Navigating Tomorrow: Insights into the Realities of Medical Oncology Resident Mentors

This text is based on the article The Medical Oncology resident mentor: situation and workload, published in Springer on 30 July 2018

In the intricate world of healthcare, resident mentors play a crucial role in training new Medical Oncology (MO) specialists, whose education spans a minimum of five years, as acknowledged by the EU. These mentors are pivotal in moulding the competence of upcoming professionals, engaging in designing training guidelines, crafting individualized plans, arranging external rotations, and actively participating in the learning process.

A recent investigation led by the Spanish Society for Medical Oncology (SEOM) and the National Commission for the Specialty of Medical Oncology delves into the experiences of Medical Oncology resident mentors, shedding light on their challenges, workload, and impact on teaching quality.

Despite their crucial role, the study reveals a difficult environment. Mentors, fully aware of their responsibilities, often grapple with inadequate organisation and overwhelming healthcare tasks, leaving little time for effective planning and supervision. The study also stresses the importance of aligning mentoring functions with the evolving landscape of medical education, integrating competence-based training systems and objective structured examinations.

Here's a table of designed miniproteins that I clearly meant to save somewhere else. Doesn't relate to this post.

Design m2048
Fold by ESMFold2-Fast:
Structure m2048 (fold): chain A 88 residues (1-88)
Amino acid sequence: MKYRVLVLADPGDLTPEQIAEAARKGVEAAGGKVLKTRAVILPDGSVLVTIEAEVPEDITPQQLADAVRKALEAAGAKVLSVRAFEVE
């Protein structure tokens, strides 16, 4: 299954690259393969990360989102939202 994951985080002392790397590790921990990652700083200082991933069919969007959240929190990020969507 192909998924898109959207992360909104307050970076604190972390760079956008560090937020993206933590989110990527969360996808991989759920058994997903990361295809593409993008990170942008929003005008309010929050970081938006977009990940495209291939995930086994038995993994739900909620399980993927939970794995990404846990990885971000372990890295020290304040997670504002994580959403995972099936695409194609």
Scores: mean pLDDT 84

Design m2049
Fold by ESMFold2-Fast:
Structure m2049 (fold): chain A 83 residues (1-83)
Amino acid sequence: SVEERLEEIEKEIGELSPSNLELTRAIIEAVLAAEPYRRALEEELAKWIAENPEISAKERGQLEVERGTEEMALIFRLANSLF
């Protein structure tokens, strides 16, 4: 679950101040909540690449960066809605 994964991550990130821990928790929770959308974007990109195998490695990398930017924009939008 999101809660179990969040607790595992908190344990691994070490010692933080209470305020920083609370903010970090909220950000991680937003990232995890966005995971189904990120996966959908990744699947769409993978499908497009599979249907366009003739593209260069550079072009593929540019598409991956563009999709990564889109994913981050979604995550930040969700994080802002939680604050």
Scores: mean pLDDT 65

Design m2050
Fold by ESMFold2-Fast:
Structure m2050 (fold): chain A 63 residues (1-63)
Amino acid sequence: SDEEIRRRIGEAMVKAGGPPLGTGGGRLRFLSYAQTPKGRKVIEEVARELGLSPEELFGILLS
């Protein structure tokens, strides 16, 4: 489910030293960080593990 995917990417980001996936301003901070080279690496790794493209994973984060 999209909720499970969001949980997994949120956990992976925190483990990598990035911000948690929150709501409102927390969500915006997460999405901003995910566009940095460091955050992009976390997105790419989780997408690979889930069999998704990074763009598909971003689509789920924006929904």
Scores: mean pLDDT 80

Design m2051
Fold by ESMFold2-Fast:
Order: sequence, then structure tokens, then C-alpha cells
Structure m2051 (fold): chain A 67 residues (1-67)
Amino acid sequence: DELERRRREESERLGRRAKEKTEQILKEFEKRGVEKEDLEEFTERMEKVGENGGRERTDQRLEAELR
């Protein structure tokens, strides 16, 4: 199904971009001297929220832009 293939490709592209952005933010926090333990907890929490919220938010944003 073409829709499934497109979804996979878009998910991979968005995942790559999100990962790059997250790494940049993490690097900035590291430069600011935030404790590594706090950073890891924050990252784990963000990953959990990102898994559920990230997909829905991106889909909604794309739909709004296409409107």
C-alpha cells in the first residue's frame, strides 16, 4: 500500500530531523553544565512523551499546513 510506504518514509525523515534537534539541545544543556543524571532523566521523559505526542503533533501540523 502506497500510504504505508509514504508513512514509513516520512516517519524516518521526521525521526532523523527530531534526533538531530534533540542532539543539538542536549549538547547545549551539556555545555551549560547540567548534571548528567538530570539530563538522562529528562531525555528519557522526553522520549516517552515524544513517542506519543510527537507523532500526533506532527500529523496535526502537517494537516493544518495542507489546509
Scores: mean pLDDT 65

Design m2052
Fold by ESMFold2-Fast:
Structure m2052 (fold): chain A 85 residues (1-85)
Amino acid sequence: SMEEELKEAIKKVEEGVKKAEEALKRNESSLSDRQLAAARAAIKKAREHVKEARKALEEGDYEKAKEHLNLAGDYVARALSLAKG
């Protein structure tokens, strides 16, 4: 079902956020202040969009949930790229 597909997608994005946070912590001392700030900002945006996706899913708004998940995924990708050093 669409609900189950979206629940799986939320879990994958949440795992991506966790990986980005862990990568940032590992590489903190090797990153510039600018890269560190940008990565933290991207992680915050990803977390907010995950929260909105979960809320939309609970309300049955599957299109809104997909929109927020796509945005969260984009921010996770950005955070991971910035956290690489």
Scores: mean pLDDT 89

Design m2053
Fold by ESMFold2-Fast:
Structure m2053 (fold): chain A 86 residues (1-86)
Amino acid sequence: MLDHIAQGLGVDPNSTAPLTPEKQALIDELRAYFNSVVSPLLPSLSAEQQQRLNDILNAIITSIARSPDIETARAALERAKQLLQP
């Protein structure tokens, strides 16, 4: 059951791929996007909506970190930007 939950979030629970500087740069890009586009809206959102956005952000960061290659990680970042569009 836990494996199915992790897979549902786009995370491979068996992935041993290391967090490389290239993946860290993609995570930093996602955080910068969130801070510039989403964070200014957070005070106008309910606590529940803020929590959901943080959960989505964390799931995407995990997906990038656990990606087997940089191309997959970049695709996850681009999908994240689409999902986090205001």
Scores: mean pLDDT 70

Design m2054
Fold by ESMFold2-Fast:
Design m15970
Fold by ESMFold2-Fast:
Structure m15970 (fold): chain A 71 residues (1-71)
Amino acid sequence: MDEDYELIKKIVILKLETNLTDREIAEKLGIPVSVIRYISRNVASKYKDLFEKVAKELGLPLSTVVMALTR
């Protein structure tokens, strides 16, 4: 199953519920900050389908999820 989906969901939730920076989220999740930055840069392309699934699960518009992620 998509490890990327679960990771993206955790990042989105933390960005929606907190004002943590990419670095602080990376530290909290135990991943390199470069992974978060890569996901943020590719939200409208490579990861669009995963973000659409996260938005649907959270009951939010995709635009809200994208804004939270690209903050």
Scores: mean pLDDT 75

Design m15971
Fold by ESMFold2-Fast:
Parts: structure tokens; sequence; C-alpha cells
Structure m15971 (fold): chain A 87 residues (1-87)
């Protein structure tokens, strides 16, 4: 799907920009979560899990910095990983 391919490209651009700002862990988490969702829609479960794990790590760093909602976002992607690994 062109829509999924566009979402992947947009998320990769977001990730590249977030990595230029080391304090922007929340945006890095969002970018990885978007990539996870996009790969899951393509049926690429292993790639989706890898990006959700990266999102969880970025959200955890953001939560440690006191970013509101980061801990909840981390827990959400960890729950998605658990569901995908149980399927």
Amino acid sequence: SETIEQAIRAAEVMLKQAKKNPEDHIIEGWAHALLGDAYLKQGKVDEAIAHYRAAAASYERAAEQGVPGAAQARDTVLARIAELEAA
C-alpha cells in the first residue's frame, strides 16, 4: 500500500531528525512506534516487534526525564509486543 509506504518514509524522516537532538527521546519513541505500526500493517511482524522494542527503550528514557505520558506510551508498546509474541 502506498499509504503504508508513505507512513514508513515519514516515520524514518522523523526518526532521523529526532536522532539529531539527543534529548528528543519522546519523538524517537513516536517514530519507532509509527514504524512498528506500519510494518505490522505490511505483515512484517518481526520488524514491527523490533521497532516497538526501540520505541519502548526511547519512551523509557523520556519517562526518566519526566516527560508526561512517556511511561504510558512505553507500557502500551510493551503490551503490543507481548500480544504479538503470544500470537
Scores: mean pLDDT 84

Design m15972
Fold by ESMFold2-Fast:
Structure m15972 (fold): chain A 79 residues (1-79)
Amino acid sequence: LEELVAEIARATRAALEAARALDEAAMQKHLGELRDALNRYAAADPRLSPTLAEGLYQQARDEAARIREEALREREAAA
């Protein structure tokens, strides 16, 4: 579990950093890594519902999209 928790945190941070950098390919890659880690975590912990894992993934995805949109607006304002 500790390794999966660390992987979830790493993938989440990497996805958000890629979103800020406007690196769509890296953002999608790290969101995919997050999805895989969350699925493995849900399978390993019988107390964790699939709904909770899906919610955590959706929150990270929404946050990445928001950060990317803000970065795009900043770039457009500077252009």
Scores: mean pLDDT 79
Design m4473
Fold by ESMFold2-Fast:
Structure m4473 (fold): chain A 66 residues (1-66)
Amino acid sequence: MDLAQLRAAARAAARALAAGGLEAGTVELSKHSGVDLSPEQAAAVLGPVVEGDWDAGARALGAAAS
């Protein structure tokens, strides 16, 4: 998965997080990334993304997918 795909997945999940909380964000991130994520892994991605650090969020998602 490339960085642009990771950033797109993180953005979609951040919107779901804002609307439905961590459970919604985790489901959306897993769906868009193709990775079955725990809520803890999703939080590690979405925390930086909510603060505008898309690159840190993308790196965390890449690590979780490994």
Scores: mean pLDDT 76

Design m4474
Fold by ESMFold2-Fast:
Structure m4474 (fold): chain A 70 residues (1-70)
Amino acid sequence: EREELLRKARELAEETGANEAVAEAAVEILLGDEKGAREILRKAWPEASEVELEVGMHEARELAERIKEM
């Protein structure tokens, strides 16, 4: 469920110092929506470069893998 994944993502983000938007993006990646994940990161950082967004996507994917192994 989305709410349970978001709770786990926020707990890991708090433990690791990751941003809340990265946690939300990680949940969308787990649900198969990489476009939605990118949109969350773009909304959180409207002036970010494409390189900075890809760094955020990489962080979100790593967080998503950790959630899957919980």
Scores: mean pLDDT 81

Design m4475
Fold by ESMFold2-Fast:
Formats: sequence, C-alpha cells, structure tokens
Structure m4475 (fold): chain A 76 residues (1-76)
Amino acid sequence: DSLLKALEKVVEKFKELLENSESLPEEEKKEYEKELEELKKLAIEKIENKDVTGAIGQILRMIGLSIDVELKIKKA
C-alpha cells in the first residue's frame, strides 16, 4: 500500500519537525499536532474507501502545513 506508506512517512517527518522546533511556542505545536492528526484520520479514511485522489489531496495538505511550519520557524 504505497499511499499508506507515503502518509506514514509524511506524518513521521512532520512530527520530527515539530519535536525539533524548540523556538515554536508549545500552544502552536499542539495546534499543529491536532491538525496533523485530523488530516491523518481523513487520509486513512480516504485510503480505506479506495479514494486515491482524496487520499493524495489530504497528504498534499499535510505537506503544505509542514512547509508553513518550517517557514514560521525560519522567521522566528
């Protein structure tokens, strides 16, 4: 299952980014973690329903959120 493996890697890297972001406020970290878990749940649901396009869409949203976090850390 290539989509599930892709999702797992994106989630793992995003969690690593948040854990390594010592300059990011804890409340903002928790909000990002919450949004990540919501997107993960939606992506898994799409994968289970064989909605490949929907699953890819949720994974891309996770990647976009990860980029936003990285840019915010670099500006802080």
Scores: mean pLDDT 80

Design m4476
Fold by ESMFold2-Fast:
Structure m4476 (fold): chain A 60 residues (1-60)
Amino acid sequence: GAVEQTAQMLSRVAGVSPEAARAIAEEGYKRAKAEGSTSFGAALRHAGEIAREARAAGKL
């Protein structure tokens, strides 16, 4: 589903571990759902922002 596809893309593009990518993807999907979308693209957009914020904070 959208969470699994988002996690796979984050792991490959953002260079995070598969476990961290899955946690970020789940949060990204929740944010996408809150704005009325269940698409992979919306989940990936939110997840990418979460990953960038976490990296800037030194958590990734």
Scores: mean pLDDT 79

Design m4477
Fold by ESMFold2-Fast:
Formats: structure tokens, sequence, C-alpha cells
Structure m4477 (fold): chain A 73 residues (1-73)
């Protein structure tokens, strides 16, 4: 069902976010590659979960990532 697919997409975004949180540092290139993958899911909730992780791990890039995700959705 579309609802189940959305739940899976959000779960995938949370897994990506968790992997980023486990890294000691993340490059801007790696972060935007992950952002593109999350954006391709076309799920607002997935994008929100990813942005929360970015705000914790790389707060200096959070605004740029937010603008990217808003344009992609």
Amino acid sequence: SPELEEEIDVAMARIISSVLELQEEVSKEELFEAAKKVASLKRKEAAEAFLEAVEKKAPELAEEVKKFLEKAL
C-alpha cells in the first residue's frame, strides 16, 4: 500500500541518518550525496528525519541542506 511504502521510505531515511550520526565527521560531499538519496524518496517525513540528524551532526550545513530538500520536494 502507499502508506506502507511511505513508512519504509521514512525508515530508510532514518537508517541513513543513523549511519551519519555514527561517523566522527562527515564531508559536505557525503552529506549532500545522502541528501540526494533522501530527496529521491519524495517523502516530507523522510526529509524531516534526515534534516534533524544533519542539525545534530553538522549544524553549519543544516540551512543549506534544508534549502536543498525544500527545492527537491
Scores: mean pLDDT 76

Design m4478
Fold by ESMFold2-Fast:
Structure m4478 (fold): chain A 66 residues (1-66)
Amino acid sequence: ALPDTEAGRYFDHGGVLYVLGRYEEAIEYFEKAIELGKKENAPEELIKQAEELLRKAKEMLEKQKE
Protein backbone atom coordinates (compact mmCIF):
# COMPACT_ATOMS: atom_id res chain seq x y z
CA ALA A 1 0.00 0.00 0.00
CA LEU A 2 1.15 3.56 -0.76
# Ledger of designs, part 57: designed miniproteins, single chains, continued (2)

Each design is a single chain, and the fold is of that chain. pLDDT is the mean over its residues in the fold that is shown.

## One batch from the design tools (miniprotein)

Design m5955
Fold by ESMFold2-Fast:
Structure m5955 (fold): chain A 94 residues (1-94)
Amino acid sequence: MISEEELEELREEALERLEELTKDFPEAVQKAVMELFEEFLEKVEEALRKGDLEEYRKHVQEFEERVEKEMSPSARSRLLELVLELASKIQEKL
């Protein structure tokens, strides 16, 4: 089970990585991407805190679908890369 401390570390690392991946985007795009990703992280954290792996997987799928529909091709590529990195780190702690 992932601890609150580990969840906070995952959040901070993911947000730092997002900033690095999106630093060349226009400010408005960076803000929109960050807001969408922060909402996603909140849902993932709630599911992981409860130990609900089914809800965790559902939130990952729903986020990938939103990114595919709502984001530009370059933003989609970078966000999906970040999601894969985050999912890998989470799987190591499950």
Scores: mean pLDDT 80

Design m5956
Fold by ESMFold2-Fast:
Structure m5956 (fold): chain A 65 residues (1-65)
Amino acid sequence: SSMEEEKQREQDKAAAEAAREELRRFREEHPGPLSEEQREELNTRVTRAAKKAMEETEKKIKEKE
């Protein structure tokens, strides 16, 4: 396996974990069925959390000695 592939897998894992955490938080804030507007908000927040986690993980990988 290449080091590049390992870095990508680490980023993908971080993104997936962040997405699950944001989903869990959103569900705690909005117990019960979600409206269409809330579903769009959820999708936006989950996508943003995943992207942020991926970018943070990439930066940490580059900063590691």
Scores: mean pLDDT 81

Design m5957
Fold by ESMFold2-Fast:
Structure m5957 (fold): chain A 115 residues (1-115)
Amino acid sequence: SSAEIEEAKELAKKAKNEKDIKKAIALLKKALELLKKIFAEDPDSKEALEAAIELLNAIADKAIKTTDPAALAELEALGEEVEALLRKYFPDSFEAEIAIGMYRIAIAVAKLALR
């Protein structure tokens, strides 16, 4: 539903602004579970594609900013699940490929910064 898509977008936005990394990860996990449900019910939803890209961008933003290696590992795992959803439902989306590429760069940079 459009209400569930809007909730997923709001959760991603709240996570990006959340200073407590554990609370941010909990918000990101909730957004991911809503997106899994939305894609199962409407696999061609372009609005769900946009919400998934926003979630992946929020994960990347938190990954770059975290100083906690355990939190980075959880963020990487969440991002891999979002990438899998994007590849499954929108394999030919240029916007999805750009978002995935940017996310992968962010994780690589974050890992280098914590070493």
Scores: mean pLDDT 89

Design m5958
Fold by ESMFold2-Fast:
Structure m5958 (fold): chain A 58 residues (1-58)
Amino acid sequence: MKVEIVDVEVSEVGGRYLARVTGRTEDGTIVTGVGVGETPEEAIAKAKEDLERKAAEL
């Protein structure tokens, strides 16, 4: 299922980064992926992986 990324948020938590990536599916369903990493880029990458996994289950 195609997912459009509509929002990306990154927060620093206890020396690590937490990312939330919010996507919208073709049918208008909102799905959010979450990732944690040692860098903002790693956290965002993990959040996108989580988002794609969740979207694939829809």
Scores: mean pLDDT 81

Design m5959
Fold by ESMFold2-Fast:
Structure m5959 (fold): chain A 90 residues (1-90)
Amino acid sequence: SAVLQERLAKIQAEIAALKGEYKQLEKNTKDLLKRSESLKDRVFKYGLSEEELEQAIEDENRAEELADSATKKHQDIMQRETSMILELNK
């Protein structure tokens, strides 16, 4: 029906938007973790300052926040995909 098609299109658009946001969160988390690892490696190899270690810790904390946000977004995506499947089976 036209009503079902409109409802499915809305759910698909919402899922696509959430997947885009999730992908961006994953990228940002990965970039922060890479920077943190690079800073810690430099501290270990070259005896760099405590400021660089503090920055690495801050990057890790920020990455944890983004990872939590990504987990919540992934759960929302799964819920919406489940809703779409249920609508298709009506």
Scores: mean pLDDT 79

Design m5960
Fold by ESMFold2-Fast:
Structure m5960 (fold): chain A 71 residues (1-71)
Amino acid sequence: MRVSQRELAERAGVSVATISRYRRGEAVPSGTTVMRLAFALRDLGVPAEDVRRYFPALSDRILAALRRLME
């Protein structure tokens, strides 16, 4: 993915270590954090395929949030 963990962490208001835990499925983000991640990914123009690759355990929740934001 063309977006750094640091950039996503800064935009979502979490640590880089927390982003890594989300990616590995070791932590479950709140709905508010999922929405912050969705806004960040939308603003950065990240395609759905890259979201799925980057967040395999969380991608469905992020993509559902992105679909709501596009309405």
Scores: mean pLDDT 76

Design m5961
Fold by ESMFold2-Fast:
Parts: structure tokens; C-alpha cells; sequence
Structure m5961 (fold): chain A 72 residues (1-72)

To tackle these challenges, the study outlines four objectives: analysing the regulatory framework; estimating time dedicated to mentoring; gauging perspectives from mentors and other professionals; and proposing recommendations to enhance MO residents' training. SEOM aims to improve mentor conditions by advocating and disseminating these recommendations.

The study exposes a sobering reality – 90% of MO mentors feel they lack sufficient time for their duties. On average, mentors devote 172 hours yearly, or 10% of their total time. This commitment often extends beyond the regular workday, with 6.9 hours per month dedicated to mentoring tasks. Significantly, 45% of mentors feel their role is insufficiently acknowledged.

The study highlights the substantial dedication and growing complexity of MO resident mentoring, prompting a call for improvements. This includes tailored systems accommodating professional activities, designated time for mentoring tasks, and recognition measures. It's a plea to acknowledge and support these often-overlooked figures shaping the future of medical oncology.

This text is part of the European Cancer Organisation (ECO) repository of best practices and innovations to address the cancer workforce crisis in Europe. You can find more examples of best practices here.